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The use of child health computing systems in primary preventive care: An evaluation

Li, Jun; (1993) The use of child health computing systems in primary preventive care: An evaluation. Doctoral thesis (Ph.D), UCL (University College London). Green open access

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Abstract

This study was undertaken in 10 districts, 5 in North East and 5 in North West Thames. The study subjects comprised a three month birth cohort (n=7841) born between January and March 1990 followed to age 19 to 21 months, and health visitors (n=340), child health managers (n=10) and computing system operating staff (n=68). The study 1) examined the quality of data available in the computing systems, 2) assessed the attitudes of health professionals to the computing systems and relevant aspects of child health services, and 3) evaluated the performance of pre-school immunisation and health surveillance programmes, using computing system data. In general, data in the computing system were considered accurate, up-to-date and (in terms of what was collected) complete. Certain problems were identified, especially regarding mobile children and families, where information was likely to be missing. As well as limitations in data transfer between localities/systems when children moved, poor standardisation of recording information was identified as a major shortcoming. Child health managers and system operating staff were satisfied with their presently used computing system in terms of facilitating the organisation of child health activities. However, most health visitors were more or less unsatisfied with the efficiency of the present system. Less than optimal communication between health professionals/localities, poor training of staff and incompatibilities between different computing systems were thought to be the most important factors affecting the performance of the child health systems. The results showed that running more health clinic sessions did not necessarily increase uptake of child health services. Uptake of immunisations had not met the 90% target in general for this three month birth cohort by the age of 19 to 21 months. Wide variation in uptake was found between groups of children, and cover rates were unacceptably low in certain sections of the child population. By and large, five risk factors were identified for low uptake of immunisations: living in a high deprived inner city district, being "allocated" to an immunisation location other than a general practitioner surgery, moving between districts, living with one parent and living in a larger family. Similar factors influenced surveillance uptake except that children registered to attend general practice were less likely to complete the programme. Variations were found across the study districts in terms of content of health checks at the two target surveillance ages, and the productivity of hearing assessments at six weeks and eight months was low. Child health computing systems are an important data source; although basically introduced for service, management and financial purposes they provide new epidemiological and research possibilities. Compared with those from "one-off' ad hoc epidemiological surveys, data stored in the systems are routinely collected, and therefore are available at no extra cost. The systems provide ongoing data allowing cross-sectional and longitudinal analyses and, particularly, if standardised and complete data variables can be collected routinely, provide opportunities for ongoing assessments of factors influencing uptake of services. Rapid feed back about the performance of preventive child health activities so allowing for rapid action can then be undertaken to improve uptake of child health services, so completing the research-audit-service loop.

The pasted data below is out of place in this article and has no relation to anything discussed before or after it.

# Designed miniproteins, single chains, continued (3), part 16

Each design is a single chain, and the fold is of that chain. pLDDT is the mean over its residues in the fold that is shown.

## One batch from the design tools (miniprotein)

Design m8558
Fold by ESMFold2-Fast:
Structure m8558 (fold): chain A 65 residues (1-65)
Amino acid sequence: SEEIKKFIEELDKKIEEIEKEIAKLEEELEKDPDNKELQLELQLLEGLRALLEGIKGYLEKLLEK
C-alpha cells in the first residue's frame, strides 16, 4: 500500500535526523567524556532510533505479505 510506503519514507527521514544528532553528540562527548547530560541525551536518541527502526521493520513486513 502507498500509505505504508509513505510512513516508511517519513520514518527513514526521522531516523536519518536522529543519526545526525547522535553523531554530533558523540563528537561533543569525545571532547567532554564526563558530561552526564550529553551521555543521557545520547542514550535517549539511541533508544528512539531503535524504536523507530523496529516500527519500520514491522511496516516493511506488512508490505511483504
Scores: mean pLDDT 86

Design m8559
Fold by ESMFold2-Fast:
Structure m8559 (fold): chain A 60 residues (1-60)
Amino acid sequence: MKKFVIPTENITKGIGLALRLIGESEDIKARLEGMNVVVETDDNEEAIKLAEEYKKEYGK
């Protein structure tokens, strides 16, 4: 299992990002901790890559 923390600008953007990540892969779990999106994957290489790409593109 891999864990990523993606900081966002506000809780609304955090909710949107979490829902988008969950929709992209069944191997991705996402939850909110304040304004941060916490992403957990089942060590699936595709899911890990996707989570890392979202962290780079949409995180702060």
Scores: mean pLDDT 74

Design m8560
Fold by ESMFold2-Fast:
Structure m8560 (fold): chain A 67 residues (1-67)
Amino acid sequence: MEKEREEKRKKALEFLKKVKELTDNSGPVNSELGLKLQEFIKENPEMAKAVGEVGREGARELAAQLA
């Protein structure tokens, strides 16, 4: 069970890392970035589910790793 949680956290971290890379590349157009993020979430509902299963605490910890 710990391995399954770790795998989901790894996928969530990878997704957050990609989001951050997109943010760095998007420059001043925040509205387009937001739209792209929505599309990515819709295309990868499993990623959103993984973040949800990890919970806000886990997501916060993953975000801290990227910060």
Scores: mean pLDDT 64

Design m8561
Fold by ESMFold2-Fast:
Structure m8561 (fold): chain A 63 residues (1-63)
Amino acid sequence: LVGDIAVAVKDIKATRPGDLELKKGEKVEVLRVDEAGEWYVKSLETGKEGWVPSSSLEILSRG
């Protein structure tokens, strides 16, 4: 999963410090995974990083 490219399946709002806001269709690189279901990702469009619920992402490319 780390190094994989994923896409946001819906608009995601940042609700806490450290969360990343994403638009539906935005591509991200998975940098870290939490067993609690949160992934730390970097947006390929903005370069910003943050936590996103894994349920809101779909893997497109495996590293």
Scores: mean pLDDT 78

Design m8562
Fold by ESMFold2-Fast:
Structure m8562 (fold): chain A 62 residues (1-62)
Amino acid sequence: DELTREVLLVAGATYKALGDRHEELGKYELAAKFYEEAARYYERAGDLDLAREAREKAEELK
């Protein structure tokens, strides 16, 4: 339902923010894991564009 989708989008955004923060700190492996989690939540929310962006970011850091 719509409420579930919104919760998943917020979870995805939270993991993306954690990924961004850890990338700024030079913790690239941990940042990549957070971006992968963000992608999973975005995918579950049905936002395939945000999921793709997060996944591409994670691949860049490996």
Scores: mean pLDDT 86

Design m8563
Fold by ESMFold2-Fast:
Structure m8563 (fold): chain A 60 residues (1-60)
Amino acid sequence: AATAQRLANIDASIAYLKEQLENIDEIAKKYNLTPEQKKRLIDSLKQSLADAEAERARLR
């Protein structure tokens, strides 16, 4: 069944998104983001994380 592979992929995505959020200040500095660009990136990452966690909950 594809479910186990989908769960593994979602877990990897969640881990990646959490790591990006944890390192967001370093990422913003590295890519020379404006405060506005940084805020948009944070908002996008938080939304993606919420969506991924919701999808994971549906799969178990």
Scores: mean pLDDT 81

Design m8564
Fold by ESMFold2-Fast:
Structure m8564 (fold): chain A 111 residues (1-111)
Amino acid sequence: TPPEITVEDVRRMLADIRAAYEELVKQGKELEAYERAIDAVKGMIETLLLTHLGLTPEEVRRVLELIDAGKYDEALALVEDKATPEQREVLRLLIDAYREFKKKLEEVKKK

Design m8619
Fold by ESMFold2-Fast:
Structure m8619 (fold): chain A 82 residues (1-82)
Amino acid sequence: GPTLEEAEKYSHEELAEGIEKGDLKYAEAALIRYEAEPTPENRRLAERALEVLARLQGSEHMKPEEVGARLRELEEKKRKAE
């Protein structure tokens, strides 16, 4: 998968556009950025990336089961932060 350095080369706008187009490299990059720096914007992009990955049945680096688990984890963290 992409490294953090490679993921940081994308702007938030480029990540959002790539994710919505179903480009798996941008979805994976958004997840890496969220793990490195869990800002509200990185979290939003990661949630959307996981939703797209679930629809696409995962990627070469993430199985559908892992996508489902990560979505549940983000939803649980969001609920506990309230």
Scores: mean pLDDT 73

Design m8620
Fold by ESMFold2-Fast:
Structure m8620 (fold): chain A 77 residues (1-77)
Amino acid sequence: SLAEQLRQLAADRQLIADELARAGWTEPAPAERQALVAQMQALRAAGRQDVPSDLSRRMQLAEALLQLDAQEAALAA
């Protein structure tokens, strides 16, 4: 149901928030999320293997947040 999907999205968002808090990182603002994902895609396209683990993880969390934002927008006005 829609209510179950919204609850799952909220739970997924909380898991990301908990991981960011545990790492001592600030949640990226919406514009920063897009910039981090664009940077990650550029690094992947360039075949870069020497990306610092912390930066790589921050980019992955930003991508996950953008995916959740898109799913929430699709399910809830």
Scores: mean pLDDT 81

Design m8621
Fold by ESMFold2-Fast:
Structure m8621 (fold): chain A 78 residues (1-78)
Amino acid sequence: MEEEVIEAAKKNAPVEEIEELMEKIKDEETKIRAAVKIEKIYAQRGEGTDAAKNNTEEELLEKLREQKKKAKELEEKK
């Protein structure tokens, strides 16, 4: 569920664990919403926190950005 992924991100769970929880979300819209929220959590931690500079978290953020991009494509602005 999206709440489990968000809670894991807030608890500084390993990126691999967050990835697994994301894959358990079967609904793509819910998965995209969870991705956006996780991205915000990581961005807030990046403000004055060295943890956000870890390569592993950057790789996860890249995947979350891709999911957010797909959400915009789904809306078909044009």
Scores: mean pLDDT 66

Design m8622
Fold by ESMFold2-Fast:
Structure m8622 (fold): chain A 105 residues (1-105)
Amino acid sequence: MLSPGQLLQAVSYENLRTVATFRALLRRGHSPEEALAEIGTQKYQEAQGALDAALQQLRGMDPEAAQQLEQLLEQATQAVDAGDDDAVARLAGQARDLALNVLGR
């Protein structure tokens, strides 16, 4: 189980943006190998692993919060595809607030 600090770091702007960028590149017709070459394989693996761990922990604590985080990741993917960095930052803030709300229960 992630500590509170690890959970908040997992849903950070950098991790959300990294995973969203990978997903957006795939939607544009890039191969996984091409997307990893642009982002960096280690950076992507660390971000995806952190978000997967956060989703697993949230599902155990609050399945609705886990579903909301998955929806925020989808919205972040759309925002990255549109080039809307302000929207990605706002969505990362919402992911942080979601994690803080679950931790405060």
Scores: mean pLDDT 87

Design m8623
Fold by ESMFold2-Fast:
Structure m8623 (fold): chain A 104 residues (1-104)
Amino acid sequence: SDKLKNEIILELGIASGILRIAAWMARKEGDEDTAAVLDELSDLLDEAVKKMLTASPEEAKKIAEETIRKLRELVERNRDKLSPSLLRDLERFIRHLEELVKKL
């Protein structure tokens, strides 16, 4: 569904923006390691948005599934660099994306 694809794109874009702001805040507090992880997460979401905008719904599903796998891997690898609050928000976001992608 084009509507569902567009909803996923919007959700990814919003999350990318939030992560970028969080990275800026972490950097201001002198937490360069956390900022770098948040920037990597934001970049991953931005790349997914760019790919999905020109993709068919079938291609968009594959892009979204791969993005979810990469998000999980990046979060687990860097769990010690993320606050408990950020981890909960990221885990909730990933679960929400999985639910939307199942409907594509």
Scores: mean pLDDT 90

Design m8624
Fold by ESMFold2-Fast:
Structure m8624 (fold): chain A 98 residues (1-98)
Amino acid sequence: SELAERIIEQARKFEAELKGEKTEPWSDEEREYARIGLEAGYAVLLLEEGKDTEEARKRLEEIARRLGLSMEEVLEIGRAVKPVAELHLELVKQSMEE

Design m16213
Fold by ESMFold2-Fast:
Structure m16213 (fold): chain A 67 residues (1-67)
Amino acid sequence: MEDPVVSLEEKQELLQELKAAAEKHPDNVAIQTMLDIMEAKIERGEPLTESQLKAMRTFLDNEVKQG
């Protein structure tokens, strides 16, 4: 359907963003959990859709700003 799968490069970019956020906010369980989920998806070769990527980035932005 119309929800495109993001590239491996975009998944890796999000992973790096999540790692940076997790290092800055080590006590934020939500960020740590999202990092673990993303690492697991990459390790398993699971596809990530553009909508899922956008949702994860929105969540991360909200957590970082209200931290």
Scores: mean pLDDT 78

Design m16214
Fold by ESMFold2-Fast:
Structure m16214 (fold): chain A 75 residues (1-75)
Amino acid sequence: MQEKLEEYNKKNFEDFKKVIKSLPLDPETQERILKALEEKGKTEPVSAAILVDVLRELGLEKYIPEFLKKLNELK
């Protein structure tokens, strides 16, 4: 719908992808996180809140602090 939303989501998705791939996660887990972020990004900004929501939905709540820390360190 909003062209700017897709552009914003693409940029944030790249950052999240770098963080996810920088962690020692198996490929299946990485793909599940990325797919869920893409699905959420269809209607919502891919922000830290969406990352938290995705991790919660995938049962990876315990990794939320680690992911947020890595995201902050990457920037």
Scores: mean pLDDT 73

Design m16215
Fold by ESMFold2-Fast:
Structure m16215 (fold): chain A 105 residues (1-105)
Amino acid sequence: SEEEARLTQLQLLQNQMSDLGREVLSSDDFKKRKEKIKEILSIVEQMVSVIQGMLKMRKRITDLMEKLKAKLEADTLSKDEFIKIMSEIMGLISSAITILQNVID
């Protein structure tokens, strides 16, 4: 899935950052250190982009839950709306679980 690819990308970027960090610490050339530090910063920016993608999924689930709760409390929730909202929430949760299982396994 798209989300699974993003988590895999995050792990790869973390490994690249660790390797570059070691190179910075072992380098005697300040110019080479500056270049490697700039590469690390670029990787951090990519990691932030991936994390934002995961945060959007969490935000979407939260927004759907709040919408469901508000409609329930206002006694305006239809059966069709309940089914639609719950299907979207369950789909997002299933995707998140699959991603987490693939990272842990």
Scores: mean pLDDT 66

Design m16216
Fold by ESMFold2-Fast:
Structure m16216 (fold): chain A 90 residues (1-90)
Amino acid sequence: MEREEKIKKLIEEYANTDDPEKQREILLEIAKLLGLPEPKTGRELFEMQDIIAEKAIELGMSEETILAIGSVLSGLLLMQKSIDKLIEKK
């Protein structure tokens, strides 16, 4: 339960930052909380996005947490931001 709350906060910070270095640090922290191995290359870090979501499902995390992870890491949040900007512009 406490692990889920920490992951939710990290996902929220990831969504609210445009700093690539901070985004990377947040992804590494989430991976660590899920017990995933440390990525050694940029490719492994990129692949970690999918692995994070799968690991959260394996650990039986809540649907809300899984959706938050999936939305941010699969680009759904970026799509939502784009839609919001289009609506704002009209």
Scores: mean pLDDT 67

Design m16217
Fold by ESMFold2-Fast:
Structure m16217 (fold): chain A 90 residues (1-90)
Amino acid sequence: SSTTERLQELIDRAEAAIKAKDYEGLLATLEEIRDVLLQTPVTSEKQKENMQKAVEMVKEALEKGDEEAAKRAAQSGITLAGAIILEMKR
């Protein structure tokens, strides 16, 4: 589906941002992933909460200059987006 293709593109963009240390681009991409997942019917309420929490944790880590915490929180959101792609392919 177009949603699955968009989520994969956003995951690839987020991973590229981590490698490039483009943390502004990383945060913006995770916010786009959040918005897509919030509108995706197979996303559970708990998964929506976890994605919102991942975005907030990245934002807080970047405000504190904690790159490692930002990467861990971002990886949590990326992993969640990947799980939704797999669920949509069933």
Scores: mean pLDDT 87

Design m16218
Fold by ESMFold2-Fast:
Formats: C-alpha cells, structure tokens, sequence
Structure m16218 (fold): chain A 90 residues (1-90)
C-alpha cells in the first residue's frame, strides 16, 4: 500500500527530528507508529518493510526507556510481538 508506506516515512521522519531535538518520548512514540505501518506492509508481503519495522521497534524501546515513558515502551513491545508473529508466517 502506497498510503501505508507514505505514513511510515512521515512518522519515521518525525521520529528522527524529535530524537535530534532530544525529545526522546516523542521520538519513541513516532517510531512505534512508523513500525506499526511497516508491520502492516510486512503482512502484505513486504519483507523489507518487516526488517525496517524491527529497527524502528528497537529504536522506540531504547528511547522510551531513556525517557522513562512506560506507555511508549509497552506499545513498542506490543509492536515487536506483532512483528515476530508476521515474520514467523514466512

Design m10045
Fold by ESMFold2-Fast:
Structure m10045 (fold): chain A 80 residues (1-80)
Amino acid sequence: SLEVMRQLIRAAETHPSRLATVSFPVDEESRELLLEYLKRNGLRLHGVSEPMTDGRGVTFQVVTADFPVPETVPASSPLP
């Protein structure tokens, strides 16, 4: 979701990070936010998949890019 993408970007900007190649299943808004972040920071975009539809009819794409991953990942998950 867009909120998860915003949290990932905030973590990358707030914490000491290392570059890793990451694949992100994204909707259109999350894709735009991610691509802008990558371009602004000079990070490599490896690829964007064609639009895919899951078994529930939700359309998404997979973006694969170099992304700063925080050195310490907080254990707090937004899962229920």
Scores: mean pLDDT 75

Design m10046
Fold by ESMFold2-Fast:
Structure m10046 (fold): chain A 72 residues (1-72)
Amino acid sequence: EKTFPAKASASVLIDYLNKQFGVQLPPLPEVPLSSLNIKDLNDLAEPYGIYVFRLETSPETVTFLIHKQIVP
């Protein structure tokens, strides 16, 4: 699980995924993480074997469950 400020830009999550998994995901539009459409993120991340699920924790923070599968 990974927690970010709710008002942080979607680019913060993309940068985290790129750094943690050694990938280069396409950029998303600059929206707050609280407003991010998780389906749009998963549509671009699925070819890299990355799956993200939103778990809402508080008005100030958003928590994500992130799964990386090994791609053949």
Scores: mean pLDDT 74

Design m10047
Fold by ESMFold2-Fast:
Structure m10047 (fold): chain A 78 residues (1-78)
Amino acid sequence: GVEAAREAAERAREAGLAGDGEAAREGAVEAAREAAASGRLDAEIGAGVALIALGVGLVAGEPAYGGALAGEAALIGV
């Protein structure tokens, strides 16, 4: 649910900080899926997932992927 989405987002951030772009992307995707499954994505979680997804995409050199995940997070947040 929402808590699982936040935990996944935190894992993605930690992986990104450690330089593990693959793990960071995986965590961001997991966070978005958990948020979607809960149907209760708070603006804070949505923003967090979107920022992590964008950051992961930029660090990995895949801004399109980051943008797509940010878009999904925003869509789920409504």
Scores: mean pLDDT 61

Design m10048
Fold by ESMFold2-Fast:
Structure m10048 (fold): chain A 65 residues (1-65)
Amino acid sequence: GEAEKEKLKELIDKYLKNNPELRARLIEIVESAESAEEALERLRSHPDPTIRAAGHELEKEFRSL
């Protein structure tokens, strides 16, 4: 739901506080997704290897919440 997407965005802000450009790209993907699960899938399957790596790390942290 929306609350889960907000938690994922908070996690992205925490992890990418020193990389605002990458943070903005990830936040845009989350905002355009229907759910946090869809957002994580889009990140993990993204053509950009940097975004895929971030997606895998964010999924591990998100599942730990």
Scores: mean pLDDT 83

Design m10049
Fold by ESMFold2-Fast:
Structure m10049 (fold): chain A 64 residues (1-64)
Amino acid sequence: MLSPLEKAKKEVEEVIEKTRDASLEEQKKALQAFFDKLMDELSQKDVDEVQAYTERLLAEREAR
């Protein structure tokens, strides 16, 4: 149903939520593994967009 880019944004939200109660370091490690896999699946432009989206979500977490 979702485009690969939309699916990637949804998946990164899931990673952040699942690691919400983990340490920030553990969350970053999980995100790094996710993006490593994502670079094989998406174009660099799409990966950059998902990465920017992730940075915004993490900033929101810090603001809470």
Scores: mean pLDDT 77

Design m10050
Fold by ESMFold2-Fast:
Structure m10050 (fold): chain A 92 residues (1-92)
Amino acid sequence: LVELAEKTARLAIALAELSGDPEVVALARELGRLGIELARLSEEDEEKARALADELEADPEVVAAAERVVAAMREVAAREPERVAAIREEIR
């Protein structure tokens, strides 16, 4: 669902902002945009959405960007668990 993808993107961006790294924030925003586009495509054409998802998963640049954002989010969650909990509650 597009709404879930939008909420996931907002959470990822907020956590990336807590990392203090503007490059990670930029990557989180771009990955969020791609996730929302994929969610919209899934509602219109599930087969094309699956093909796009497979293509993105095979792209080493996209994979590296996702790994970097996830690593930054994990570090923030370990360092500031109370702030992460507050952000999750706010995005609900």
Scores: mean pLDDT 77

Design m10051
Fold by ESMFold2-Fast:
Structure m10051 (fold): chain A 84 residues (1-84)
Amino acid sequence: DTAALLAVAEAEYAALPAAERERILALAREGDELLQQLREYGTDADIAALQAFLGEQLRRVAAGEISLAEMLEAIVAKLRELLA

Type: Thesis (Doctoral)
Qualification: Ph.D
Title: The use of child health computing systems in primary preventive care: An evaluation
Open access status: An open access version is available from UCL Discovery
Language: English
Additional information: Thesis digitised by ProQuest.
Keywords: Health and environmental sciences; Child health; Computing systems; Primary preventative care
URI: https://discovery.ucl.ac.uk/id/eprint/10101233
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